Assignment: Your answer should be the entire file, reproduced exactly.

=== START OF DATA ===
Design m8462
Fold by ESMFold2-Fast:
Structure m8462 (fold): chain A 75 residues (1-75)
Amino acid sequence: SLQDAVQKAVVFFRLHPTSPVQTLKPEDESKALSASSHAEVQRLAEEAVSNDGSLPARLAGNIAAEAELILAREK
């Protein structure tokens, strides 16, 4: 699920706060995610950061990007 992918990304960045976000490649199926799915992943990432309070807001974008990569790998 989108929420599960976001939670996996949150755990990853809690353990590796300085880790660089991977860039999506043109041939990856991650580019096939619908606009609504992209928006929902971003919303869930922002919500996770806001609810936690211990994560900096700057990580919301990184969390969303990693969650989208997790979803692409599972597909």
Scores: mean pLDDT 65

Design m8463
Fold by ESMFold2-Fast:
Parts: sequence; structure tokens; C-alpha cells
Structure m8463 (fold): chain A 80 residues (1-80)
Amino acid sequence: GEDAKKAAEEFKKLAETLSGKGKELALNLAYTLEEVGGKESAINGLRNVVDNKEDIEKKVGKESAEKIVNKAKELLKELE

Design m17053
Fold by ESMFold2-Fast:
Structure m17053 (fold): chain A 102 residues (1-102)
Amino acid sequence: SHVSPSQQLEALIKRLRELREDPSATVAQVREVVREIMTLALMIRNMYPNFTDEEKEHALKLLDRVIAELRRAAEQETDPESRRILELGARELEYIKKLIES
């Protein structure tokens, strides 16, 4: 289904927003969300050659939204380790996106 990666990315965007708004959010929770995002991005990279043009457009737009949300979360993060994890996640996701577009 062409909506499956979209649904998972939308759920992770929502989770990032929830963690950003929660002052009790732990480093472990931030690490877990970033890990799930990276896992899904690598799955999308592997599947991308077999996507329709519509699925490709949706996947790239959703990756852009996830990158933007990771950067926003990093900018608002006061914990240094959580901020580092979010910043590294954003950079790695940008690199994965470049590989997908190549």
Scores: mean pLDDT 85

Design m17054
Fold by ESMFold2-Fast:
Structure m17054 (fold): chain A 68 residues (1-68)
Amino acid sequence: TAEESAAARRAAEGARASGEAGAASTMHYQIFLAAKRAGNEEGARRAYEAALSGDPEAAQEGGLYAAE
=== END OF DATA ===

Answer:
Design m8462
Fold by ESMFold2-Fast:
Structure m8462 (fold): chain A 75 residues (1-75)
Amino acid sequence: SLQDAVQKAVVFFRLHPTSPVQTLKPEDESKALSASSHAEVQRLAEEAVSNDGSLPARLAGNIAAEAELILAREK
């Protein structure tokens, strides 16, 4: 699920706060995610950061990007 992918990304960045976000490649199926799915992943990432309070807001974008990569790998 989108929420599960976001939670996996949150755990990853809690353990590796300085880790660089991977860039999506043109041939990856991650580019096939619908606009609504992209928006929902971003919303869930922002919500996770806001609810936690211990994560900096700057990580919301990184969390969303990693969650989208997790979803692409599972597909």
Scores: mean pLDDT 65

Design m8463
Fold by ESMFold2-Fast:
Parts: sequence; structure tokens; C-alpha cells
Structure m8463 (fold): chain A 80 residues (1-80)
Amino acid sequence: GEDAKKAAEEFKKLAETLSGKGKELALNLAYTLEEVGGKESAINGLRNVVDNKEDIEKKVGKESAEKIVNKAKELLKELE

Design m17053
Fold by ESMFold2-Fast:
Structure m17053 (fold): chain A 102 residues (1-102)
Amino acid sequence: SHVSPSQQLEALIKRLRELREDPSATVAQVREVVREIMTLALMIRNMYPNFTDEEKEHALKLLDRVIAELRRAAEQETDPESRRILELGARELEYIKKLIES
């Protein structure tokens, strides 16, 4: 289904927003969300050659939204380790996106 990666990315965007708004959010929770995002991005990279043009457009737009949300979360993060994890996640996701577009 062409909506499956979209649904998972939308759920992770929502989770990032929830963690950003929660002052009790732990480093472990931030690490877990970033890990799930990276896992899904690598799955999308592997599947991308077999996507329709519509699925490709949706996947790239959703990756852009996830990158933007990771950067926003990093900018608002006061914990240094959580901020580092979010910043590294954003950079790695940008690199994965470049590989997908190549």
Scores: mean pLDDT 85

Design m17054
Fold by ESMFold2-Fast:
Structure m17054 (fold): chain A 68 residues (1-68)
Amino acid sequence: TAEESAAARRAAEGARASGEAGAASTMHYQIFLAAKRAGNEEGARRAYEAALSGDPEAAQEGGLYAAE